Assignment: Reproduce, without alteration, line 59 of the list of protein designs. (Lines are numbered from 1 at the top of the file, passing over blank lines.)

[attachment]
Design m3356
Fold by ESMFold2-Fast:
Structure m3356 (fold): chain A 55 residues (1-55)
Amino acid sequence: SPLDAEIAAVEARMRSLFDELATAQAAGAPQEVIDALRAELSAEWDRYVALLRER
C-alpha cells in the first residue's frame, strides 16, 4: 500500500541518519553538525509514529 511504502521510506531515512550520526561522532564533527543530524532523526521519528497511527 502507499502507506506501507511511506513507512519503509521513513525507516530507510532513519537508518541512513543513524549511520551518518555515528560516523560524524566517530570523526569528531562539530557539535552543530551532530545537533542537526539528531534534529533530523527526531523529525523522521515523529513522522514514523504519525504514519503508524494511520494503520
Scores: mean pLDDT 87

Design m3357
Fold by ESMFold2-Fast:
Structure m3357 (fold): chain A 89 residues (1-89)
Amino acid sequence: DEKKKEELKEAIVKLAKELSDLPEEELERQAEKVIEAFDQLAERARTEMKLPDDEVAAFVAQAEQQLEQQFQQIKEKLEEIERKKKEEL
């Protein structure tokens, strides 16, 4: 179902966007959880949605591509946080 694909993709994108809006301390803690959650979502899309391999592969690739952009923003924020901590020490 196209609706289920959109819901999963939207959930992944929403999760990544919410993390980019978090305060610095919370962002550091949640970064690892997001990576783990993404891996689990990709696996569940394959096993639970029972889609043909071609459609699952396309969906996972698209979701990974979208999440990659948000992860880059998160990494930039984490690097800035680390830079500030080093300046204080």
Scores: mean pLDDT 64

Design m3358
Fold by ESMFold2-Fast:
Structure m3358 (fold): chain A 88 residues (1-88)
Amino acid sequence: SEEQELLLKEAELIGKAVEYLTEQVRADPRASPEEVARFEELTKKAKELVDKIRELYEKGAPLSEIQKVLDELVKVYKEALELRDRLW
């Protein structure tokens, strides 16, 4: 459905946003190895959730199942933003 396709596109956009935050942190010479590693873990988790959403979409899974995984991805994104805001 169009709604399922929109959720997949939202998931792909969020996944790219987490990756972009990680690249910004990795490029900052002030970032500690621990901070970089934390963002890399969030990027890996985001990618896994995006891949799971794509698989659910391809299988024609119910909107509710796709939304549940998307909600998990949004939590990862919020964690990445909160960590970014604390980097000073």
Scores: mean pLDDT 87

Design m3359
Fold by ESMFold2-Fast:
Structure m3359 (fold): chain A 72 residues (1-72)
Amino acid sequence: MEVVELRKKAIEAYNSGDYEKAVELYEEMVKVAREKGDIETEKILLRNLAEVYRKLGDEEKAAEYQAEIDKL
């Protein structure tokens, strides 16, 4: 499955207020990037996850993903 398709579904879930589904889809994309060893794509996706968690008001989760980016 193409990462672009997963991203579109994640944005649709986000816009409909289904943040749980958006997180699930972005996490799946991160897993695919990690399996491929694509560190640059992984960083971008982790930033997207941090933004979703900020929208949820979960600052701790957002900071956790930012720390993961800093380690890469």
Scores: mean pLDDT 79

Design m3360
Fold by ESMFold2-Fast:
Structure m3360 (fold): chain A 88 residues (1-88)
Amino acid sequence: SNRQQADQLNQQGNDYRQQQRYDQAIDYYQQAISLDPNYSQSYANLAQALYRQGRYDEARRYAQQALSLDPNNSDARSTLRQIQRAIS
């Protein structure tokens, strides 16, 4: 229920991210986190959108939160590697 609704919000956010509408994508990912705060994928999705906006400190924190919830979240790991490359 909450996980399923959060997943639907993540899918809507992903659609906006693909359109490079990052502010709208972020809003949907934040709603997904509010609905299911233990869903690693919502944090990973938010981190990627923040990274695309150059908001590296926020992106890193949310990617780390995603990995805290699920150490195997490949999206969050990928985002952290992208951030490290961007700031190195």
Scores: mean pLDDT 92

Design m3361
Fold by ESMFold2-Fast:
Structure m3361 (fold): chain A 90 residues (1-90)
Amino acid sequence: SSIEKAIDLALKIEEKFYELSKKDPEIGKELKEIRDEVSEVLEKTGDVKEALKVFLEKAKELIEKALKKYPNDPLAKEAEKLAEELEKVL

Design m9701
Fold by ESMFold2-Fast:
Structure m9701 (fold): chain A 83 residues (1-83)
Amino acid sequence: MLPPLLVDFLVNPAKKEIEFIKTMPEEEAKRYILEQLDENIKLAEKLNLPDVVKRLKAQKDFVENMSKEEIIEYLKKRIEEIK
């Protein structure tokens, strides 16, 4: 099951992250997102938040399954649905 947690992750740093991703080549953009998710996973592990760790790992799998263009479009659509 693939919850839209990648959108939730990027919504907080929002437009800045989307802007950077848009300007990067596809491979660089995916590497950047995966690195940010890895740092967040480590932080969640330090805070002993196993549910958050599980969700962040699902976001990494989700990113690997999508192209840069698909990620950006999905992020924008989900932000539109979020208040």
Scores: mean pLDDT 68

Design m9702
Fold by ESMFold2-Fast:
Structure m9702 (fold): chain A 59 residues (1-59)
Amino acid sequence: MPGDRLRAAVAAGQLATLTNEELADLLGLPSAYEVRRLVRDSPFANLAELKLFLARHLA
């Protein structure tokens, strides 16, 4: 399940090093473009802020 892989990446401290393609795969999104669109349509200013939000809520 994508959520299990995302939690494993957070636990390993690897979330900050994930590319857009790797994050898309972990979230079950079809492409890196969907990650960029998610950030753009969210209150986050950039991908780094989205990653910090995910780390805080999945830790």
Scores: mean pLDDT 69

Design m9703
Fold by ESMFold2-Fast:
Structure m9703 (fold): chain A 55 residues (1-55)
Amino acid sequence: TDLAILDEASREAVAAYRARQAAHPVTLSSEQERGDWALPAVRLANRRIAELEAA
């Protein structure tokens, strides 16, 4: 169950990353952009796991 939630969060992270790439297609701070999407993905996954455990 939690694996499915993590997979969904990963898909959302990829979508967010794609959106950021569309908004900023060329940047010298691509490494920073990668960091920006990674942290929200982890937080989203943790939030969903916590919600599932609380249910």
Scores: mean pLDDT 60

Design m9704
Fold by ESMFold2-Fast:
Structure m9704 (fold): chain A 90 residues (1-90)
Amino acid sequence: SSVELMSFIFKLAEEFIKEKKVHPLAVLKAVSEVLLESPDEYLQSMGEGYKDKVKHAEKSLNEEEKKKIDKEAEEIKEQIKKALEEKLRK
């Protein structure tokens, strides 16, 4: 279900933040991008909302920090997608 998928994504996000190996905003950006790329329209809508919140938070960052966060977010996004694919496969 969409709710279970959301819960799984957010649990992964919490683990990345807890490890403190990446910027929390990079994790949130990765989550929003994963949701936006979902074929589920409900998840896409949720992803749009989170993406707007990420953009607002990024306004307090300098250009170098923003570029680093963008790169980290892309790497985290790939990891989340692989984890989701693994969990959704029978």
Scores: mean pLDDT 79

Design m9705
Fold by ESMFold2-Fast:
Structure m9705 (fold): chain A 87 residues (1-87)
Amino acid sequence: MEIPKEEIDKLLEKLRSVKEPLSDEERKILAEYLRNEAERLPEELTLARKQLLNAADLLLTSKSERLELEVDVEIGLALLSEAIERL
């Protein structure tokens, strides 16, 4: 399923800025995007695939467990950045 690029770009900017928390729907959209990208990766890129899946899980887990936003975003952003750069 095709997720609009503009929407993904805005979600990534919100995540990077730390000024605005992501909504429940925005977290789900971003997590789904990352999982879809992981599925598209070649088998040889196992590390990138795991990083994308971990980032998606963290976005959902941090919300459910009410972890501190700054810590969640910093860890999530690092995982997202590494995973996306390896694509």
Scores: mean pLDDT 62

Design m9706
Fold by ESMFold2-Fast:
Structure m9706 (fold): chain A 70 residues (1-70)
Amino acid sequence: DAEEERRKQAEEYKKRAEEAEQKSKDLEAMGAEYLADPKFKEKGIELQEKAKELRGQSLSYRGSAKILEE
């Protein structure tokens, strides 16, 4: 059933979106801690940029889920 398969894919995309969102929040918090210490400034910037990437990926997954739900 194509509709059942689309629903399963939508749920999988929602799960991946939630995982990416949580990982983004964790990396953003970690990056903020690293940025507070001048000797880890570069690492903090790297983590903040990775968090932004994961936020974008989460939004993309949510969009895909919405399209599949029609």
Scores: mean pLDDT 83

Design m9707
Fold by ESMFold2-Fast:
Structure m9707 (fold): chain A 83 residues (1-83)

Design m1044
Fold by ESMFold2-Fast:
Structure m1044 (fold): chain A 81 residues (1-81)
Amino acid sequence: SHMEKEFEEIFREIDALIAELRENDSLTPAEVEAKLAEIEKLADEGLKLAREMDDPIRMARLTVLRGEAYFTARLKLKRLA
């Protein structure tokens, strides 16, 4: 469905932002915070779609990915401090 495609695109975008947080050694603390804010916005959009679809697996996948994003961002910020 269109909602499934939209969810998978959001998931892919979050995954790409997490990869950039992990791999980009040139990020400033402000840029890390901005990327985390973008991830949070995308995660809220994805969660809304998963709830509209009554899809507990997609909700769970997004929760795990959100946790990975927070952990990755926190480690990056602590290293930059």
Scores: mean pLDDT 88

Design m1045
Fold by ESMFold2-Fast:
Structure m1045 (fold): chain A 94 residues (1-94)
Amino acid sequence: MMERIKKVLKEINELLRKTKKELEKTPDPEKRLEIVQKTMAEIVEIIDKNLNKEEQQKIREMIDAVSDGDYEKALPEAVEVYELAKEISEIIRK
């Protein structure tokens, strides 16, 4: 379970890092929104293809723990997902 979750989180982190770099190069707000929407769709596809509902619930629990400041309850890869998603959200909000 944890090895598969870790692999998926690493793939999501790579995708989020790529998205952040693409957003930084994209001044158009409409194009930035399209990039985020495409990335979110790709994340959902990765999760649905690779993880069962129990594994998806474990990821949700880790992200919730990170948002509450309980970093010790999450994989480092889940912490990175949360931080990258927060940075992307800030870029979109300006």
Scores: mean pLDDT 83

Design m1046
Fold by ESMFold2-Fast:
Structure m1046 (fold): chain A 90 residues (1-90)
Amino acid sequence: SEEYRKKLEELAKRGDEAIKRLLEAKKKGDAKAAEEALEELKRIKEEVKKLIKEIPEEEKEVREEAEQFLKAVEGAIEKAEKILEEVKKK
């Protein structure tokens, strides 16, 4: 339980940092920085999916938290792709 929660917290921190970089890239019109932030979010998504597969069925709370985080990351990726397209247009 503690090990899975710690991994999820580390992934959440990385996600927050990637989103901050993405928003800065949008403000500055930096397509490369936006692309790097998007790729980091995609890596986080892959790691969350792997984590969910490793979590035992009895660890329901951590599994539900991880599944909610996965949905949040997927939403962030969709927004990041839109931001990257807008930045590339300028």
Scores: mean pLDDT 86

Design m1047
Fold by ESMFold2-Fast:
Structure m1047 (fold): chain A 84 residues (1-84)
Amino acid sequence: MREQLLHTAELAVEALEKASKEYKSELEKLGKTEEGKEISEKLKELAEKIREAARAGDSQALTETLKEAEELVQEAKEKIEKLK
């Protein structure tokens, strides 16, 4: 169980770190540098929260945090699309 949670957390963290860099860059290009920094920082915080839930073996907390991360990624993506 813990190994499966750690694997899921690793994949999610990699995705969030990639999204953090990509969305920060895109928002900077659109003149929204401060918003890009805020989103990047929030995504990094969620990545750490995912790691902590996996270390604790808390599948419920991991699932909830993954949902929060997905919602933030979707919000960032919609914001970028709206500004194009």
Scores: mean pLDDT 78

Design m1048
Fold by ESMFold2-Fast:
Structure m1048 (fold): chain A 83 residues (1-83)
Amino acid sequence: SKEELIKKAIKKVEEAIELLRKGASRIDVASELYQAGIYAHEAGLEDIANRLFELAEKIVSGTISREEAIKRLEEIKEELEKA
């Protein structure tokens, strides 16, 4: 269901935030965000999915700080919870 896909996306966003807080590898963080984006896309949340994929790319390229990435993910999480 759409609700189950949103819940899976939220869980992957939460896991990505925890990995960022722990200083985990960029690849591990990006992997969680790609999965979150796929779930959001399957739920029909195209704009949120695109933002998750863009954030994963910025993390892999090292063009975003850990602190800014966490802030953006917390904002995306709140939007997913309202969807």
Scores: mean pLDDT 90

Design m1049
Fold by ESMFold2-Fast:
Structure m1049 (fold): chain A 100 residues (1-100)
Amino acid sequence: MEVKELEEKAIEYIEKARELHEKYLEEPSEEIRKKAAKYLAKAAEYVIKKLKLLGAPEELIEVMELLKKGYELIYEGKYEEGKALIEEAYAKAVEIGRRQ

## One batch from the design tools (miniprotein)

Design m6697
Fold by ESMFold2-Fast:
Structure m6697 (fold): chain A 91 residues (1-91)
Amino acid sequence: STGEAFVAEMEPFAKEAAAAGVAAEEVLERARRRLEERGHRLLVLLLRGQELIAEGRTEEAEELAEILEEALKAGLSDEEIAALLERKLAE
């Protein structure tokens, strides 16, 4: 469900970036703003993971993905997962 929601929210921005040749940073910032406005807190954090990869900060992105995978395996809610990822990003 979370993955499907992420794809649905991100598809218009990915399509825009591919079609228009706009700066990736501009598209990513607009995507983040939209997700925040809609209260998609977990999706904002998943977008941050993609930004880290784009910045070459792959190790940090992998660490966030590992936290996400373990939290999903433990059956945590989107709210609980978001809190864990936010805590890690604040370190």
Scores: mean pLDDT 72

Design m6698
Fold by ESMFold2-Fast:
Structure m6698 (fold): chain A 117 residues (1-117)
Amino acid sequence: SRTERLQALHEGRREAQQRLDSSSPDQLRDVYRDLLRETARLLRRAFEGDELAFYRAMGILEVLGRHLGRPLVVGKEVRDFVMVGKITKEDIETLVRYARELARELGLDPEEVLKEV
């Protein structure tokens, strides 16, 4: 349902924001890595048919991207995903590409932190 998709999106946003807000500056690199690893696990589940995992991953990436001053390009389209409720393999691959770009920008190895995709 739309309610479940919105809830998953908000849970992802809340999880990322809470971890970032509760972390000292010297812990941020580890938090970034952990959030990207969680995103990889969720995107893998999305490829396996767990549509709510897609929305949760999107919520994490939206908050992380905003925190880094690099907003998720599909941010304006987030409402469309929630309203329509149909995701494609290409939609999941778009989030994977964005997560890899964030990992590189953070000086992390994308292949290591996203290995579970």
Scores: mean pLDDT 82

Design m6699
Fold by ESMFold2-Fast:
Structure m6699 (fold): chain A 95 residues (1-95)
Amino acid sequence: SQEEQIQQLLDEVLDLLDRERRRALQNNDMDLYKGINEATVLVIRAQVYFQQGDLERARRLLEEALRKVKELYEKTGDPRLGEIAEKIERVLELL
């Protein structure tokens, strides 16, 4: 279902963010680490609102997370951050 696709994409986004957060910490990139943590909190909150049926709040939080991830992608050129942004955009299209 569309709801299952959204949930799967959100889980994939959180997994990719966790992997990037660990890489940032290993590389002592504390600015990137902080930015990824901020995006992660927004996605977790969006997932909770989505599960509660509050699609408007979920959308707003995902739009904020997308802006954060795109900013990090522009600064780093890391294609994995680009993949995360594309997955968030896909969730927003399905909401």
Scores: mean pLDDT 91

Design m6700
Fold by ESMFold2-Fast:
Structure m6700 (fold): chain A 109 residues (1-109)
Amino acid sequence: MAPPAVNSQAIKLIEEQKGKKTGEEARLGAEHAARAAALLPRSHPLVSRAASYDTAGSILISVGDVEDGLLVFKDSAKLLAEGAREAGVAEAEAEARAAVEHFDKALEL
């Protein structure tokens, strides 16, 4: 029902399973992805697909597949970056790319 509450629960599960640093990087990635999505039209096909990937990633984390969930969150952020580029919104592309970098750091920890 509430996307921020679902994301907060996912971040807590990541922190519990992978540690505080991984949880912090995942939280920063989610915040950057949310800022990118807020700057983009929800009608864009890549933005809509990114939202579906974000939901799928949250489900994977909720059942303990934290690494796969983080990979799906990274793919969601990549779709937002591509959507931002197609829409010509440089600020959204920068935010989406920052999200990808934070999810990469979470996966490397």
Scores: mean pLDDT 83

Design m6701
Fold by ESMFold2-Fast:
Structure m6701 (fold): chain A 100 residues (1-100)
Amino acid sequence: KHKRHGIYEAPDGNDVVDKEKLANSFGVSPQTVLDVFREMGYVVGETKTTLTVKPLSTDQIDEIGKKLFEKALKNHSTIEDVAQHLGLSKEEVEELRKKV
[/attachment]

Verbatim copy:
Design m9705